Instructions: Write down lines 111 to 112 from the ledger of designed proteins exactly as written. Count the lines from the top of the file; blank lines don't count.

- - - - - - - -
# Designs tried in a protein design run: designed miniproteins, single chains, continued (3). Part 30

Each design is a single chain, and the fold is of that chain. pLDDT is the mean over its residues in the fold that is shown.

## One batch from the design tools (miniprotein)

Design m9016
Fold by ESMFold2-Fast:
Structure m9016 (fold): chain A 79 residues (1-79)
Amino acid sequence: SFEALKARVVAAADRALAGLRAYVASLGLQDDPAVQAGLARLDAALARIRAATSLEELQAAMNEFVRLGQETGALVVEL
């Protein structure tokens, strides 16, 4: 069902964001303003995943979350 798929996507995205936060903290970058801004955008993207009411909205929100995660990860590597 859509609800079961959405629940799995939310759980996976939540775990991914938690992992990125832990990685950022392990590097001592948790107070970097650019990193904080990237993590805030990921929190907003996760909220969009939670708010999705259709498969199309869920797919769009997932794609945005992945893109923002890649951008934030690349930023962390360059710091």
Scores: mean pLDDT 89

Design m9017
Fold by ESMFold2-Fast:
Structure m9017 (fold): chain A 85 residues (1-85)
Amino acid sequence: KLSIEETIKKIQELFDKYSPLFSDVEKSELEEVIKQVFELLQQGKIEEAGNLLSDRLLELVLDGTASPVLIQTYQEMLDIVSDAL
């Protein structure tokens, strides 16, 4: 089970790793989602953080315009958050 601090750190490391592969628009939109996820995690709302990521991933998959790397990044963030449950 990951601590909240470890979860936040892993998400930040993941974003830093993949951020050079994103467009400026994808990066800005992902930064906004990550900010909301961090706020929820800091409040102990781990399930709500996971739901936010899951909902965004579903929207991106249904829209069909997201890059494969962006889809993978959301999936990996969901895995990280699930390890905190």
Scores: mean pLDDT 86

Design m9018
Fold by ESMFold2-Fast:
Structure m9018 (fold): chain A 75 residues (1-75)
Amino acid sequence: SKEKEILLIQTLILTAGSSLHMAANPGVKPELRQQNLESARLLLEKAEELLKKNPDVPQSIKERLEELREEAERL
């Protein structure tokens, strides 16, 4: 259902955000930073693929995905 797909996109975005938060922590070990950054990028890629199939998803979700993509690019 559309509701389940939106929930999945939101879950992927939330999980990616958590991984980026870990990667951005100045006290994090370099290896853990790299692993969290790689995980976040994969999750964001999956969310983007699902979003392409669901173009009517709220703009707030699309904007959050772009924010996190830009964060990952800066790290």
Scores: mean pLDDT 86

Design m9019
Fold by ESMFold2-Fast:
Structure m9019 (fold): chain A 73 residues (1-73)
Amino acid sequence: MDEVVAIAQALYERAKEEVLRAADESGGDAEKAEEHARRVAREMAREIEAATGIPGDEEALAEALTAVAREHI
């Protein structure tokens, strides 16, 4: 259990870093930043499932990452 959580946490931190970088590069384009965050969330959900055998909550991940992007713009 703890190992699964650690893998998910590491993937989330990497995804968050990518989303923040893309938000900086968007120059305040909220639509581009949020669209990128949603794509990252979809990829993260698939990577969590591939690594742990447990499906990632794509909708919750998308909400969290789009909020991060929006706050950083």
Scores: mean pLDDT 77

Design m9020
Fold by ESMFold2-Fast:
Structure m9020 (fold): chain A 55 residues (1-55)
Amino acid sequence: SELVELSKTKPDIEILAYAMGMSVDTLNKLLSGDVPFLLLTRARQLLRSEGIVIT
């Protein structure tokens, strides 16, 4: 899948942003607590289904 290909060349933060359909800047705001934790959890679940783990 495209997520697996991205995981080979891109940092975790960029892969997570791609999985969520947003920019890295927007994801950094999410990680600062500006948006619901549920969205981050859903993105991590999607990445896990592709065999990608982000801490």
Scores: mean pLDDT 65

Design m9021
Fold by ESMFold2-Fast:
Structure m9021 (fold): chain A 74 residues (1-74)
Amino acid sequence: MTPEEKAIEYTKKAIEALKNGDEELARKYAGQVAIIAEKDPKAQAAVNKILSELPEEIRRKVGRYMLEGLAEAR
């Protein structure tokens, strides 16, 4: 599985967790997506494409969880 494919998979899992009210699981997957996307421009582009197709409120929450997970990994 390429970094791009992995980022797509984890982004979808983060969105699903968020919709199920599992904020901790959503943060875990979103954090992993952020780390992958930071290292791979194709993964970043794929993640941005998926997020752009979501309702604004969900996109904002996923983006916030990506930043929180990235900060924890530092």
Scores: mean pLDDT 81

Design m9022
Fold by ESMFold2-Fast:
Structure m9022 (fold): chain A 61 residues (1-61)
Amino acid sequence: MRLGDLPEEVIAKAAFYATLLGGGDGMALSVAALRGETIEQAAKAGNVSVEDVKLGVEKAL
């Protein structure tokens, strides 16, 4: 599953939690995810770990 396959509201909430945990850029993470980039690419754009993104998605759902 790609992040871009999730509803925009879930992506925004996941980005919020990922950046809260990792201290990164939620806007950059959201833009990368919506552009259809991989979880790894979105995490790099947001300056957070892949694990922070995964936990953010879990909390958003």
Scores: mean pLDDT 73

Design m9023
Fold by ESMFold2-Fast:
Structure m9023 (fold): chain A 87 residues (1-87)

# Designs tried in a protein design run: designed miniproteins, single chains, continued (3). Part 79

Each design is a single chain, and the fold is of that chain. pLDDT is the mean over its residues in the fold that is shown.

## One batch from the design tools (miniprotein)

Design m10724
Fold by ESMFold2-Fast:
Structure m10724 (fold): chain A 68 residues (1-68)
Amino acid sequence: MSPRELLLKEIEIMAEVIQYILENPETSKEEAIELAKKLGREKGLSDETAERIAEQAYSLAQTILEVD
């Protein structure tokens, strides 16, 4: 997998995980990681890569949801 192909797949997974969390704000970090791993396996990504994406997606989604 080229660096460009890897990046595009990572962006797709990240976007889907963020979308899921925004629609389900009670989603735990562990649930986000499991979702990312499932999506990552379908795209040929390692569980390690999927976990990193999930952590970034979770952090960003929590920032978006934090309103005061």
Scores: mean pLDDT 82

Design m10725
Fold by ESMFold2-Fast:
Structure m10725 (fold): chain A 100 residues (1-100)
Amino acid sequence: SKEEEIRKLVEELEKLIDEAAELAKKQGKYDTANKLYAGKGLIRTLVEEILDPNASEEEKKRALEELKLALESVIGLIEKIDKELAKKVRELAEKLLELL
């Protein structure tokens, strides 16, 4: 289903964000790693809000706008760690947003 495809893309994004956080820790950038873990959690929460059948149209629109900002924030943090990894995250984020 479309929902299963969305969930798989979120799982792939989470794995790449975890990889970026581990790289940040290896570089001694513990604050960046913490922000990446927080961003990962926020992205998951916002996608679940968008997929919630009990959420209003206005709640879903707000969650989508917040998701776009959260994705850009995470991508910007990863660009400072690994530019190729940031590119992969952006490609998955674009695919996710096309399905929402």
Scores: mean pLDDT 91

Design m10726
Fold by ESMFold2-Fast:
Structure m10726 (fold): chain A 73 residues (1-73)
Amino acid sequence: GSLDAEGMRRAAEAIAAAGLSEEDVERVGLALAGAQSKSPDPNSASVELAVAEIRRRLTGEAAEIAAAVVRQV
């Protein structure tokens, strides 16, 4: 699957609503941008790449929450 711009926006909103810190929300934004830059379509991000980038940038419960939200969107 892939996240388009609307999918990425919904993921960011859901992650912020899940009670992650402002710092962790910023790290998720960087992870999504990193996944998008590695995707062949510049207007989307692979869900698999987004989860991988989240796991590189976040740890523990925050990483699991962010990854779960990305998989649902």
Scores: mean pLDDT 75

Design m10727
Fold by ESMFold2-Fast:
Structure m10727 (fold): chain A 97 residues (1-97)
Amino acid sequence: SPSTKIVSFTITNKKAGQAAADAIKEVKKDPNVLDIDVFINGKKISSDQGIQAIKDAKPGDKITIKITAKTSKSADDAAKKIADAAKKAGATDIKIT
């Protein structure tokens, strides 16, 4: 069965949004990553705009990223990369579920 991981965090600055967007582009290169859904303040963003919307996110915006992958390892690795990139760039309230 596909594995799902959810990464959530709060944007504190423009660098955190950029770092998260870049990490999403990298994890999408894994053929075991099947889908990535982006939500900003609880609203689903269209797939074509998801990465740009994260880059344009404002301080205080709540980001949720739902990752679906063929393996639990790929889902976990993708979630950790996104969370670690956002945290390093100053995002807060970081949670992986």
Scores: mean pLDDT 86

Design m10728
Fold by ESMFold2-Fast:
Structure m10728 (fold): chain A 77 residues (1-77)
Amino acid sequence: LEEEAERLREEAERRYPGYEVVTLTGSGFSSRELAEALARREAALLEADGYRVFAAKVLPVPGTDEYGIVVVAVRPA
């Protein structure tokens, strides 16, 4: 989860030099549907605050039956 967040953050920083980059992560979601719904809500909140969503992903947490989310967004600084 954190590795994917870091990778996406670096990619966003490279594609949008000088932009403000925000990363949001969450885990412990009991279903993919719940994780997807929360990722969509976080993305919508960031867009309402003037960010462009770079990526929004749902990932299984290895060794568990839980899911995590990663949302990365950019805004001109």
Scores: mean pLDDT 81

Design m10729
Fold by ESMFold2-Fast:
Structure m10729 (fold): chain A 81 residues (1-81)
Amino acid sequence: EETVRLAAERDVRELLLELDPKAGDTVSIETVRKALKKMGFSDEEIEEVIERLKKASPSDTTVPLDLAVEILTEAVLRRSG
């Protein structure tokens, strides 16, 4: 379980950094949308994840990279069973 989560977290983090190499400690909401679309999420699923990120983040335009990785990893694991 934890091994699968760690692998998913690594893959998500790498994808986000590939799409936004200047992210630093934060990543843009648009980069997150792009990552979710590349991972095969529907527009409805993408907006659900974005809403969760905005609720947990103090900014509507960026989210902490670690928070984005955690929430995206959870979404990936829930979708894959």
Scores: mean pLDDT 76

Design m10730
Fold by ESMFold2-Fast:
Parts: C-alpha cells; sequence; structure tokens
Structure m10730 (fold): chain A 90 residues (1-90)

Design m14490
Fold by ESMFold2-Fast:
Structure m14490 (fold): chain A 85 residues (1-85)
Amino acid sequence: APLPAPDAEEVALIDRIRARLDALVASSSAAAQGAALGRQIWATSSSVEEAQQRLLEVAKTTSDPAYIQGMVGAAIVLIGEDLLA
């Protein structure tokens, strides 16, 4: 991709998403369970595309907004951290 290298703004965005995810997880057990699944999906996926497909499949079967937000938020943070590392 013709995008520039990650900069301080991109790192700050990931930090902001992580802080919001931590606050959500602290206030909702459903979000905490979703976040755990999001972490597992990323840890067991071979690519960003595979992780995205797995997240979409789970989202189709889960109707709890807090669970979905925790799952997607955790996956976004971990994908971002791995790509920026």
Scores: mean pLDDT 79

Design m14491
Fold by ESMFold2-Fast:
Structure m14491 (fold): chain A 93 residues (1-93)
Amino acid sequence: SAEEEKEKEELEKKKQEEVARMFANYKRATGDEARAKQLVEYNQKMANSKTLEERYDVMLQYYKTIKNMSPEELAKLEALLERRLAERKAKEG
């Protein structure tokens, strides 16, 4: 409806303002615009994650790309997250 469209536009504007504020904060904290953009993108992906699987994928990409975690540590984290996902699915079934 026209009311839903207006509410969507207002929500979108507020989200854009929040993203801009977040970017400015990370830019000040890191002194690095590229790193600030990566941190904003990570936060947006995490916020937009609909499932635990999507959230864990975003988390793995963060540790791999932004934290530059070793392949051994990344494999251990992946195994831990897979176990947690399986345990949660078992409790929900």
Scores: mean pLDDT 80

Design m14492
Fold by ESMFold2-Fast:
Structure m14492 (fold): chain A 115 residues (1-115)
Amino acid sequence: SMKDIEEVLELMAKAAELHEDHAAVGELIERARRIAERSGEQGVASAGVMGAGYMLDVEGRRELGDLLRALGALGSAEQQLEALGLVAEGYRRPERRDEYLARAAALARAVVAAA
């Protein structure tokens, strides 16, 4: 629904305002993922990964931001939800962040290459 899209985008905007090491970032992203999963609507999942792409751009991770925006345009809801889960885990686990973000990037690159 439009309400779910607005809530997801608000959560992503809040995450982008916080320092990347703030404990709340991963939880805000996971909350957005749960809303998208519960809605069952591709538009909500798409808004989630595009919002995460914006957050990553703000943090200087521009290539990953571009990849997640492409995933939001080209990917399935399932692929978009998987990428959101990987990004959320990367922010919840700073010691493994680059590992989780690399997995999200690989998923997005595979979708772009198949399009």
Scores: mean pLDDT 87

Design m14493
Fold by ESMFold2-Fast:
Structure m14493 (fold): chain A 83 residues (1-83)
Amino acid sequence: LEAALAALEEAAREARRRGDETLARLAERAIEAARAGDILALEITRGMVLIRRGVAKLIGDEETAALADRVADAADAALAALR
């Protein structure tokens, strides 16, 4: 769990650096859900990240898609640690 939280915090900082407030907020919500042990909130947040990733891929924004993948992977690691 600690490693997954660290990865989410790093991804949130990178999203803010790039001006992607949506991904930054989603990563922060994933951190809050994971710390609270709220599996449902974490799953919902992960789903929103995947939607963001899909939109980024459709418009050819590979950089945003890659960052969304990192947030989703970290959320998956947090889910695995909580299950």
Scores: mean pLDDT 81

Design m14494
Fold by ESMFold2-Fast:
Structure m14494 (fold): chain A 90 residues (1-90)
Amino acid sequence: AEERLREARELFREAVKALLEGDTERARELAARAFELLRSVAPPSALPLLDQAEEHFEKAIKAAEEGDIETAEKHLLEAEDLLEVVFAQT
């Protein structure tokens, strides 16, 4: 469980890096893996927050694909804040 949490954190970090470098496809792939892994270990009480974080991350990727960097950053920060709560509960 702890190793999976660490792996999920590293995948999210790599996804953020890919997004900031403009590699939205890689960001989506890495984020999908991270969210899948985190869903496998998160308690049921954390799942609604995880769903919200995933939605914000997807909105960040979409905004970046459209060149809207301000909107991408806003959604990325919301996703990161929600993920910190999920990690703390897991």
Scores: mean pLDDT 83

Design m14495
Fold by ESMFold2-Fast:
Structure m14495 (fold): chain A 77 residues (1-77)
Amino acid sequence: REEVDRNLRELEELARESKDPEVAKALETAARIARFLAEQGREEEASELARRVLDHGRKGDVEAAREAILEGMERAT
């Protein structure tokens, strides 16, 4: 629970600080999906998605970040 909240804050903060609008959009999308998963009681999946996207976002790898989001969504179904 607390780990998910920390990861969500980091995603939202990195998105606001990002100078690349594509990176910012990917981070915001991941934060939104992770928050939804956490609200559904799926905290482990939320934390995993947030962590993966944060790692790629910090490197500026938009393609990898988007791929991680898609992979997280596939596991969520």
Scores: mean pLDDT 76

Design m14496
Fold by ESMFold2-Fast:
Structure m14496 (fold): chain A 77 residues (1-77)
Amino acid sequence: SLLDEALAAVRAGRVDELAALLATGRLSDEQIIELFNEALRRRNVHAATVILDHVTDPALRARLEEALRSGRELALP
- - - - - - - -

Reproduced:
Fold by ESMFold2-Fast:
Structure m14493 (fold): chain A 83 residues (1-83)